SAN DIEGO - An historic canyon, used in years past by cattle rustlers and bandits as an illegal border crossing between Mexico and the United States and more recently by illegal immigrants, is slated to be wiped off the map.
The federal government's project to fill in Smuggler's Gulch with dirt is scheduled to be completed by May. The government has lopped off the top of nearby hills and shoved some 1.7 million cubic yards of earth into the pass and neighboring Goat Canyon.
Environmentalists fear that the project will harm endangered fauna, the Tijuana Estuary and Native American sites.
"We've lost sensitive habitat and the estuary is now threatened," Jim Peugh, conservation chairman of the San Diego Audubon Society, told the Los Angeles Times.
But Border Patrol officials say the move, which includes installing lighting, fencing and surveillance cameras, will help them control the porous border.
Smuggler's Gulch became known in the 1880s when the U.S. government established customs duties at San Ysidro, a nearby border town. People started using the gulch to smuggle goods in to the United States to avoid the duties.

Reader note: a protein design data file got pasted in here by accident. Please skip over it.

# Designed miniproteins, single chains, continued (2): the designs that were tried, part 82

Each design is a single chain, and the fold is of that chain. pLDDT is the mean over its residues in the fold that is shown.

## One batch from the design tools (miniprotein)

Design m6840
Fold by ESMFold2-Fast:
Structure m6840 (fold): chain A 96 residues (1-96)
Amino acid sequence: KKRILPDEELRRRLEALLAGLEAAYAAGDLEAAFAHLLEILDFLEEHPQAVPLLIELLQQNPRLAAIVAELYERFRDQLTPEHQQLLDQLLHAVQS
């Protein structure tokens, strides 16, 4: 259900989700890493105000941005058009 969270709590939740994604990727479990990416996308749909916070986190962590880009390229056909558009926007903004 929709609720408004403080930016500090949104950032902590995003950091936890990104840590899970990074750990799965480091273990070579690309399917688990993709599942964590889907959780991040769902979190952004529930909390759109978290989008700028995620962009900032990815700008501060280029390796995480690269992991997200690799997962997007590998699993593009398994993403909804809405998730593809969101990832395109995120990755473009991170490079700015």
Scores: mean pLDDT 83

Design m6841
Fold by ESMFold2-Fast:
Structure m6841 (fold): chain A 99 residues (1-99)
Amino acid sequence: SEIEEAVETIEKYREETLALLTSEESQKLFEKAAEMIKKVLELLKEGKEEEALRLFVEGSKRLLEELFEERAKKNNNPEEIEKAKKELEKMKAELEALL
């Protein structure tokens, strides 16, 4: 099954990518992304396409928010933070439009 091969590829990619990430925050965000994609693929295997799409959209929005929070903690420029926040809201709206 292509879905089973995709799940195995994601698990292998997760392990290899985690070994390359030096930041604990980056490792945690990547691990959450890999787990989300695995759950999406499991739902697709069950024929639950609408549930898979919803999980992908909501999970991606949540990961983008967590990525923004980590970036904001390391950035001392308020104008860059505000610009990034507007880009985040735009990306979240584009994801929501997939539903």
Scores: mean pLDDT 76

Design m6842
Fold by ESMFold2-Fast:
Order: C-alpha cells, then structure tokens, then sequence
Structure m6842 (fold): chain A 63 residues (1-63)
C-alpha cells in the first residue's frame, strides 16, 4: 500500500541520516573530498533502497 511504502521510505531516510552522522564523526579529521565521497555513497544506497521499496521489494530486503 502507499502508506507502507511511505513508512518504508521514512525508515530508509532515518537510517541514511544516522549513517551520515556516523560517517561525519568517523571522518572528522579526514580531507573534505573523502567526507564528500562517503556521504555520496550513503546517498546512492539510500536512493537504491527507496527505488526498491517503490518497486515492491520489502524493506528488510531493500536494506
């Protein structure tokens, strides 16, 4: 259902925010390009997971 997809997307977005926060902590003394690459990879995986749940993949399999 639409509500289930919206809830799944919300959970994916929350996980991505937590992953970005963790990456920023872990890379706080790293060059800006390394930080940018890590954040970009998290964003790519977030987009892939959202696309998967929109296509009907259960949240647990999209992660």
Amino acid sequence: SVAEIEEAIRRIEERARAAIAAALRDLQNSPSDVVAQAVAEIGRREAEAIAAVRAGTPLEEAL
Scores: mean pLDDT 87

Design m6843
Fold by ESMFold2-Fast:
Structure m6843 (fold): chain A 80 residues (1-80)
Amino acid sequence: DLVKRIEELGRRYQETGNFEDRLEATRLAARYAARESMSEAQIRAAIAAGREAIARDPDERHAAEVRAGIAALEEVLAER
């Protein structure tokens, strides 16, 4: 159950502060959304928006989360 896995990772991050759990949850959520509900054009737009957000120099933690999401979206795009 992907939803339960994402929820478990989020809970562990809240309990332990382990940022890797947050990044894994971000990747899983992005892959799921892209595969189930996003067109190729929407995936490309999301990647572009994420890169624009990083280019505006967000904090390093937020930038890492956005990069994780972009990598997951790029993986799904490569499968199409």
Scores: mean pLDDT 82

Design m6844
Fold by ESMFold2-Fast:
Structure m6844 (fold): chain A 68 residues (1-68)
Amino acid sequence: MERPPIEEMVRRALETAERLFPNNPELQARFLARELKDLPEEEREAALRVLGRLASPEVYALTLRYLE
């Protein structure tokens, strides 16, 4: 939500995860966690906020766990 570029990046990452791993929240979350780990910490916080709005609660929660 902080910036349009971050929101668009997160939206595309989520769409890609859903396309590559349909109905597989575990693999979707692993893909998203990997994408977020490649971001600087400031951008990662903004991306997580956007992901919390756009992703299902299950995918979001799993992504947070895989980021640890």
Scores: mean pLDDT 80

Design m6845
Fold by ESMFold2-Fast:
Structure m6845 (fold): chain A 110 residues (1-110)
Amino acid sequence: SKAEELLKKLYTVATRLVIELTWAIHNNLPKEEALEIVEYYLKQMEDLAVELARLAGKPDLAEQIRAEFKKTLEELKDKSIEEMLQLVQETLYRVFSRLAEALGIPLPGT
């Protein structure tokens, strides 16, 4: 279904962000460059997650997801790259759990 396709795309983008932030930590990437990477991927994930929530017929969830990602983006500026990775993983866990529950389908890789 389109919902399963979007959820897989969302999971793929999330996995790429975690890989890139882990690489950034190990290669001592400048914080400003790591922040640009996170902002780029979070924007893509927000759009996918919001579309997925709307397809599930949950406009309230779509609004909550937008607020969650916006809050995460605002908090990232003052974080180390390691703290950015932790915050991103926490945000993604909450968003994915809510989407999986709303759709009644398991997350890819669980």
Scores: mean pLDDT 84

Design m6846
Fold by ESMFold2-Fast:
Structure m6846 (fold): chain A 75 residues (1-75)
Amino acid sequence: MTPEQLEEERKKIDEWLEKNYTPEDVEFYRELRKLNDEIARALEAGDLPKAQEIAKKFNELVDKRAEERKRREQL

A century later, the pass was a main conduit for illegal immigration, but it was known as a risky journey. Immigrants were frequently robbed and raped or charged tolls for passage. Border agents were shot at.
In the 1990s, stepped up law enforcement efforts pushed illegal immigration flows to other areas, but the gulch was still being used by smugglers.
Local historian Charles W. Hughes said it was a shame that the gulch, which was used by some of California's earliest settlers, is being destroyed. "We talk about trying to preserve our history," he told the Los Angeles Times. "And yet they can come in and do this."